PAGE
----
Had Everton been able to carve out a first win over Manchester City in two-and-a-half years, they would, perhaps for only 24 hours or so, be sitting on the top of the Premier League with three matches gone having made their best start to a season in almost 10 years.

Following the emphatic nature of the 3-0 win Southampton last weekend and with the possibility that the club might unveil a new signing or two Goodison Park this afternoon, optimism was high that Roberto Martinez's side might be able to do just that with the right kind of performance and the rub of the green.

Unfortunately, none of the new players were signed in time and, on the pitch, luck would not be on their side today – not only did the Blues' display fall short of the calibre needed to end their opponent's 100% start to the new campaign, they came up against a City side that displayed all the characteristics of a team on course to reclaim its Premier League crown. It is they who will almost certainly occupy the top flight's summit tomorrow night, a lofty position that still looks some way beyond Everton's reach on this evidence.

It wasn't that Martinez's men played particularly badly overall but the solitary shot on target they mustered spoke volumes of their inability to seriously examine the visitors' rearguard. The pace, cohesion and incisiveness in the final third that proved much for the Saints last Saturday was largely absent despite an unchanged line-up and when the manager belatedly tried to salvage the game with his remaining second-half substitutions, he altered the personnel but neither the shape nor the outcome.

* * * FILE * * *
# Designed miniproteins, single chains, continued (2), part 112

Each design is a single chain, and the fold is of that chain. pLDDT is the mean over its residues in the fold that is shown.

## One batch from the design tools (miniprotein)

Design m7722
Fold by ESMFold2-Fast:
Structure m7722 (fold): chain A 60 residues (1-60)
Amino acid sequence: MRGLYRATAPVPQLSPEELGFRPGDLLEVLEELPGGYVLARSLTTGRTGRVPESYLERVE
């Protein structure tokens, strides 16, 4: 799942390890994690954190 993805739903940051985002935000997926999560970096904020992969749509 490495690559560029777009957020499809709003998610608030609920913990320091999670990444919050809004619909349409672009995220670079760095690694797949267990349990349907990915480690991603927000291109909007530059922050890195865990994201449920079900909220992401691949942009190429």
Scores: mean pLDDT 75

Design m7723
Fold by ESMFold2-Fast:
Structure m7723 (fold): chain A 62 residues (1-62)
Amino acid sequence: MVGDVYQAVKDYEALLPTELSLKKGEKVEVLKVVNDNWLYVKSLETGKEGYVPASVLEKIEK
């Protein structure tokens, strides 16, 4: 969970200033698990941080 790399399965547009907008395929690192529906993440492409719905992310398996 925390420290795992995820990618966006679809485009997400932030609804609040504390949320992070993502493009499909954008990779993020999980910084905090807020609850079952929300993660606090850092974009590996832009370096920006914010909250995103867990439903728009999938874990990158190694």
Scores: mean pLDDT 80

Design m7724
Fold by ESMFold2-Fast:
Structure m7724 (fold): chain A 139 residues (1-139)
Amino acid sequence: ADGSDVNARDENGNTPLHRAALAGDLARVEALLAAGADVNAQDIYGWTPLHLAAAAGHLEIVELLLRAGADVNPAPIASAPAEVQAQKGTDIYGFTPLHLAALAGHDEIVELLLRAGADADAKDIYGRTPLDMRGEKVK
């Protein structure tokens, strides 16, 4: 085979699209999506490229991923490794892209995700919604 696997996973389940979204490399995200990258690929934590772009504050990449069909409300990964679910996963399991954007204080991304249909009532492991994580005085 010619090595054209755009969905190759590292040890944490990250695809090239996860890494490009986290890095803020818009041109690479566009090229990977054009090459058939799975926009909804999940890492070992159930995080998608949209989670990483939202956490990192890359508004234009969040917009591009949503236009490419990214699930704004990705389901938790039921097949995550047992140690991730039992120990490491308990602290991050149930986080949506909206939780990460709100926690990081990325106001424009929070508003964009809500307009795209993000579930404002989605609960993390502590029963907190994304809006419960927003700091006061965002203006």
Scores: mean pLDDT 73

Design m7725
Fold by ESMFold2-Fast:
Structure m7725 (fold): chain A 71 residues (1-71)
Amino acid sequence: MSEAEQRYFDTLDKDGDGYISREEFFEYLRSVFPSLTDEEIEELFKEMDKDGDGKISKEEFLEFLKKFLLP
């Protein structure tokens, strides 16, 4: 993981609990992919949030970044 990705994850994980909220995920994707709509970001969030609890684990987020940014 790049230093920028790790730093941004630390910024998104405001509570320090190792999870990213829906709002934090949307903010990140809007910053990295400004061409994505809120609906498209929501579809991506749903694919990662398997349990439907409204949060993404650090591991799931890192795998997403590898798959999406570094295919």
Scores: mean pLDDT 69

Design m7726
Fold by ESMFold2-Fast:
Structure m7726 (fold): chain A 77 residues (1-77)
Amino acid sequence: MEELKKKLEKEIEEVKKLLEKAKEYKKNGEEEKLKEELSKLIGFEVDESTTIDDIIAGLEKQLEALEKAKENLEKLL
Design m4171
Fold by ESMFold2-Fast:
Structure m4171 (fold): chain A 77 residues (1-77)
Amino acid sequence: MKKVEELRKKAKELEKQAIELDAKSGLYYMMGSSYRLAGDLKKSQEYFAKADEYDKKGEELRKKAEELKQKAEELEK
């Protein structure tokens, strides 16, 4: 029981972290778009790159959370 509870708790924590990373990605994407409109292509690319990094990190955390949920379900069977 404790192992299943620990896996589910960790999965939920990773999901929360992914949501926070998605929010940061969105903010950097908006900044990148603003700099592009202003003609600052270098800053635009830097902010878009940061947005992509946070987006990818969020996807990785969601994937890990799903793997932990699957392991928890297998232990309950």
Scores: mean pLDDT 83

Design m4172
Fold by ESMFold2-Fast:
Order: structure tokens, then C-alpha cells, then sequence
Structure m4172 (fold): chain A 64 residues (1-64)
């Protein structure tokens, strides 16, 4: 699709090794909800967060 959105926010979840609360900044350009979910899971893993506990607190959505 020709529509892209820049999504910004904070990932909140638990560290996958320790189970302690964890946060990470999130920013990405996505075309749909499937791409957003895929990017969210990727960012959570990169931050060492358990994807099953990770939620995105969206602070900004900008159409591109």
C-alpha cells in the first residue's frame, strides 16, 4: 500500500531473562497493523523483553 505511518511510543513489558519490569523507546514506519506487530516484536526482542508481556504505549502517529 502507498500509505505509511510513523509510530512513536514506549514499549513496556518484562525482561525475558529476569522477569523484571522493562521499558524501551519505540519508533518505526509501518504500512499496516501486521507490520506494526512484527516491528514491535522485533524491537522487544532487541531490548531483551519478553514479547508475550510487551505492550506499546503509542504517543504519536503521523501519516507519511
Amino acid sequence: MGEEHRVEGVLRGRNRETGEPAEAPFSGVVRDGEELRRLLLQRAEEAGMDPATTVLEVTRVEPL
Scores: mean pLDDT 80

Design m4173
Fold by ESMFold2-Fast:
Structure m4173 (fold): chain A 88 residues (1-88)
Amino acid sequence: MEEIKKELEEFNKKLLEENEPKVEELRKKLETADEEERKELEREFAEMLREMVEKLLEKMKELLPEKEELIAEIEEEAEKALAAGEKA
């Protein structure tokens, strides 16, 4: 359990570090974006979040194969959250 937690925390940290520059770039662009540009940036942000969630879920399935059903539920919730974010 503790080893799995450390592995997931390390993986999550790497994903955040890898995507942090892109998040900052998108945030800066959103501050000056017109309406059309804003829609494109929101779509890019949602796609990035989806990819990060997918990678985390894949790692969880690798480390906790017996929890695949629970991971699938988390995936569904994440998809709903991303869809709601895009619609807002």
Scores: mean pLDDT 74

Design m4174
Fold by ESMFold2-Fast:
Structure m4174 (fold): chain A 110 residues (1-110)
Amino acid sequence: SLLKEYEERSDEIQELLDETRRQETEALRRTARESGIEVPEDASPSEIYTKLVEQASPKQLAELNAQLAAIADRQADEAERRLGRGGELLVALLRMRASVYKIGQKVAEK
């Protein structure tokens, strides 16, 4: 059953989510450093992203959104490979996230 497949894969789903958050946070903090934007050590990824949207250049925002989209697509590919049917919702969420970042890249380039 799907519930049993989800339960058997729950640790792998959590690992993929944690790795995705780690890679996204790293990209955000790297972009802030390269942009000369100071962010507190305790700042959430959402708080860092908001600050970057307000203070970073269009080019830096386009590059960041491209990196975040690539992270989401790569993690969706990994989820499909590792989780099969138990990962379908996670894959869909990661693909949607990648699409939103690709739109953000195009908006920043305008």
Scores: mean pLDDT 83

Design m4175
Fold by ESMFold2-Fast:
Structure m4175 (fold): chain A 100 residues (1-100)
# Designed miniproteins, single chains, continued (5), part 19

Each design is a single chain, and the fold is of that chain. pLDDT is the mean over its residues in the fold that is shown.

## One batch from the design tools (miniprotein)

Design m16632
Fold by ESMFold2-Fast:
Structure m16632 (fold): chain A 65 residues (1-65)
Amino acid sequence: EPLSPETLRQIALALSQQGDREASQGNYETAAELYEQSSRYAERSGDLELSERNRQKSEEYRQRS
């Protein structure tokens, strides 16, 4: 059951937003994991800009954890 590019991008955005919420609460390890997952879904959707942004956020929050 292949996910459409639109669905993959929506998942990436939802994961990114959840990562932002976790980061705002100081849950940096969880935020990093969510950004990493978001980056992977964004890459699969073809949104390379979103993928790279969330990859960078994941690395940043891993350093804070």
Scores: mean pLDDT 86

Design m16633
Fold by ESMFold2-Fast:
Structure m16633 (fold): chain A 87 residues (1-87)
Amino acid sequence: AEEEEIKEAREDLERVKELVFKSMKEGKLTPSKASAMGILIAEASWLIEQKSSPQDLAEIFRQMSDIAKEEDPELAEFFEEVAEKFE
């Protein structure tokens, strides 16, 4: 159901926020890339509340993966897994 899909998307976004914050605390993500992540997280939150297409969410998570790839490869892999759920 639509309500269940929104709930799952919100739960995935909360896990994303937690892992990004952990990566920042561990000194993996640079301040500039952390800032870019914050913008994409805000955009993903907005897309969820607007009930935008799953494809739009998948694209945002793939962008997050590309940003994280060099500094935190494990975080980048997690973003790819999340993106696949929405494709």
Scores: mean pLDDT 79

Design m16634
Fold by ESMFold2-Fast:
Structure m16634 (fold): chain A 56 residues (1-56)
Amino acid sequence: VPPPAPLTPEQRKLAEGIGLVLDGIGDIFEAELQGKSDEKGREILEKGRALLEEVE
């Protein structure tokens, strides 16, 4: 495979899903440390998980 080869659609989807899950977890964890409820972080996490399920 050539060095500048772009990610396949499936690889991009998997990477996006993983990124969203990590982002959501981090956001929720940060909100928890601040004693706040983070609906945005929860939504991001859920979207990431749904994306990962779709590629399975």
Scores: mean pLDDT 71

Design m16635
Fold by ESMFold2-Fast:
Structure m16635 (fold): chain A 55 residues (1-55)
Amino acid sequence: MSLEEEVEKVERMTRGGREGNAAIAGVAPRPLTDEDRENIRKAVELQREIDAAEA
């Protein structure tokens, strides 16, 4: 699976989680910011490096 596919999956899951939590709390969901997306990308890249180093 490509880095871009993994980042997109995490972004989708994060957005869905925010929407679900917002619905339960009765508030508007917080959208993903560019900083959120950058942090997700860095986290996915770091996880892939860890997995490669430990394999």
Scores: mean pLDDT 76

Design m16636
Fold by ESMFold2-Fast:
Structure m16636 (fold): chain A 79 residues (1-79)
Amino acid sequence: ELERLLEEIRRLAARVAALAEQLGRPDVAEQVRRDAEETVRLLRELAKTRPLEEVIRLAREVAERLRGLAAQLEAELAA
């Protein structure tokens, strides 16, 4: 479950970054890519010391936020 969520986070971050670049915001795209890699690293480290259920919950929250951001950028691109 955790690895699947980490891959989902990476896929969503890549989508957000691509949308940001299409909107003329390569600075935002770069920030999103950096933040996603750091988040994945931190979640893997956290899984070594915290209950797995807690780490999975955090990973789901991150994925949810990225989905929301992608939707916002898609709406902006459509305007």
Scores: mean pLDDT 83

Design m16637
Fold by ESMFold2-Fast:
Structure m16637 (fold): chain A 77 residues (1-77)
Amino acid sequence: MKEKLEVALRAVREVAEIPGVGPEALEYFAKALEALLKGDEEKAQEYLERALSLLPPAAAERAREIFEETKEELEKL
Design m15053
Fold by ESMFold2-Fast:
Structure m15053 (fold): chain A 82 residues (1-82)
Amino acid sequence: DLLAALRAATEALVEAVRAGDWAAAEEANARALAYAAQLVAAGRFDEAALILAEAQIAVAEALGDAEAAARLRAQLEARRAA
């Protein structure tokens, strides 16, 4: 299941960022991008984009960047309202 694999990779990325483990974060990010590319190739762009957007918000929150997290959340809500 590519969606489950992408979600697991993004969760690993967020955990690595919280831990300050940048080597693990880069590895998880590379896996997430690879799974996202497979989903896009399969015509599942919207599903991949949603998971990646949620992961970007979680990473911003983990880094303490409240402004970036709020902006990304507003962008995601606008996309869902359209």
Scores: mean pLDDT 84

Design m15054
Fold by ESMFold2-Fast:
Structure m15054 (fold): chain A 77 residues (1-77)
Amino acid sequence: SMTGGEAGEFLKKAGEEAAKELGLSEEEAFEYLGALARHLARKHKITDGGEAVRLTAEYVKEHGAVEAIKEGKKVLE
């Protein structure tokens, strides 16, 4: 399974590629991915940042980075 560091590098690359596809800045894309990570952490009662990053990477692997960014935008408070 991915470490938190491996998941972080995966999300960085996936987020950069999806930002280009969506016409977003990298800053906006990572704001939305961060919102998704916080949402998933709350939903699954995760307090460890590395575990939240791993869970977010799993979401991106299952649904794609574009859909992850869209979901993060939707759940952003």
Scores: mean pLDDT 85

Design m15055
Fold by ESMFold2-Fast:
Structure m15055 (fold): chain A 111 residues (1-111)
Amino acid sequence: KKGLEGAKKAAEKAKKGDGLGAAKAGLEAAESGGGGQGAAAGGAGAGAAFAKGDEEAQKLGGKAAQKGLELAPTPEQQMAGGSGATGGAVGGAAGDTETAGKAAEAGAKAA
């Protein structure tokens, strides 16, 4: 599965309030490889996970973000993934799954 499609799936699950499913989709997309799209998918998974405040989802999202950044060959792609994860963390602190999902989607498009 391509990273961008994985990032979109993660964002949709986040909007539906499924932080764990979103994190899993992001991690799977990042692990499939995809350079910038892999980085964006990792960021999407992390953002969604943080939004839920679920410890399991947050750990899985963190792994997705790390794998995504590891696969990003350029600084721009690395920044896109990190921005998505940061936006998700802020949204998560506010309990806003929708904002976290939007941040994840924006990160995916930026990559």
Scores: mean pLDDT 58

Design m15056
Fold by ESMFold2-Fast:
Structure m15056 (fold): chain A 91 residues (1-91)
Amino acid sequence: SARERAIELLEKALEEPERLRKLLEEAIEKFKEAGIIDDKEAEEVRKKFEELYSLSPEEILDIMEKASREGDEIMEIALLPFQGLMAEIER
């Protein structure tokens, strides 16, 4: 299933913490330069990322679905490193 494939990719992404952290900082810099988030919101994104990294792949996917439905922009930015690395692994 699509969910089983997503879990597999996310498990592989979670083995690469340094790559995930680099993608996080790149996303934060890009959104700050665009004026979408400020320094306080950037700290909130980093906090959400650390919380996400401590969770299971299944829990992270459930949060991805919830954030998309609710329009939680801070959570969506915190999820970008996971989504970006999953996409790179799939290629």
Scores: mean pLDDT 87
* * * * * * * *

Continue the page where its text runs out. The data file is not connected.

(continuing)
Everton made a habit of frustrating and beating City when Roberto Mancini was in charge but those stirring results were mostly achieved on the back of relentless pressure, tenacity in midfield and sheer will going forward; here the desire appeared to be there but the Blues left simply left City's most dangerous players too much space in which to operate and failed to make enough inroads at the other end.

Despite having not really risen to the occasion, at the halfway stage Everton's plan was still very much intact, however. Indeed, they could count themselves slightly unfortunate not to be ahead after Romelu Lukaku had seen a first-half "goal" ruled out by an incredibly tight offside decision and then grazed the crossbar with a direct free kick after Tom Cleverley had been upended in full flight by Fernandinho on the edge of the "D". Phil Jagielka had also gone close with a header off a corner and Seamus Coleman's left-footed shot at the end of a solo run slid narrowly wide of Joe Hart's post.

By the same token, a half-time lead might have flattered Everton given how important Tim Howard had been in the early going when he twice denied Sergio Aguero with impressive saves with his legs, saw Yaya Toure flash the ball across his goal and then bundled Raheem Sterling's low shot behind.

It was City who emerged from the interval showing evidence of a managerial catalyst, however, and it resulted in their superiority eventually telling within 15 minutes of the restart. A better finish from the game's stand-out performer, David Silva, would have put the Blues behind a lot earlier in the second half – he latched onto Sterling's reverse pass and smacked a shot off the face of Howard's right-hand post – but Aleksander Kolarov provided the opening goal on the hour mark.

Sterling, booed throughout because of his Liverpool connections, was again the provider with a neat pass that found Kolarov's unchecked run on the overlap and with Howard inexplicably diving in the direction of an anticipated cross, the Serbian fired easily inside the American's near post.

It was ironic that such a sloppily-conceded goal had come down City's left because Everton had been compromised late in the first half by an injury to Brendan Galloway that necessitated his withdrawal, with Tyias Browning thrown into an unfamiliar left-back role and charged with the task of dealing with the direct running of Jesus Navas. Curiously, the visitors hadn't tried too often to exploit the youngster's weakness out of his natural position but there was a strong case for Martinez dropping Gareth Barry back to left back and Cleverley alongside James McCarthy to allow for Kevin Mirallas to come on further forward.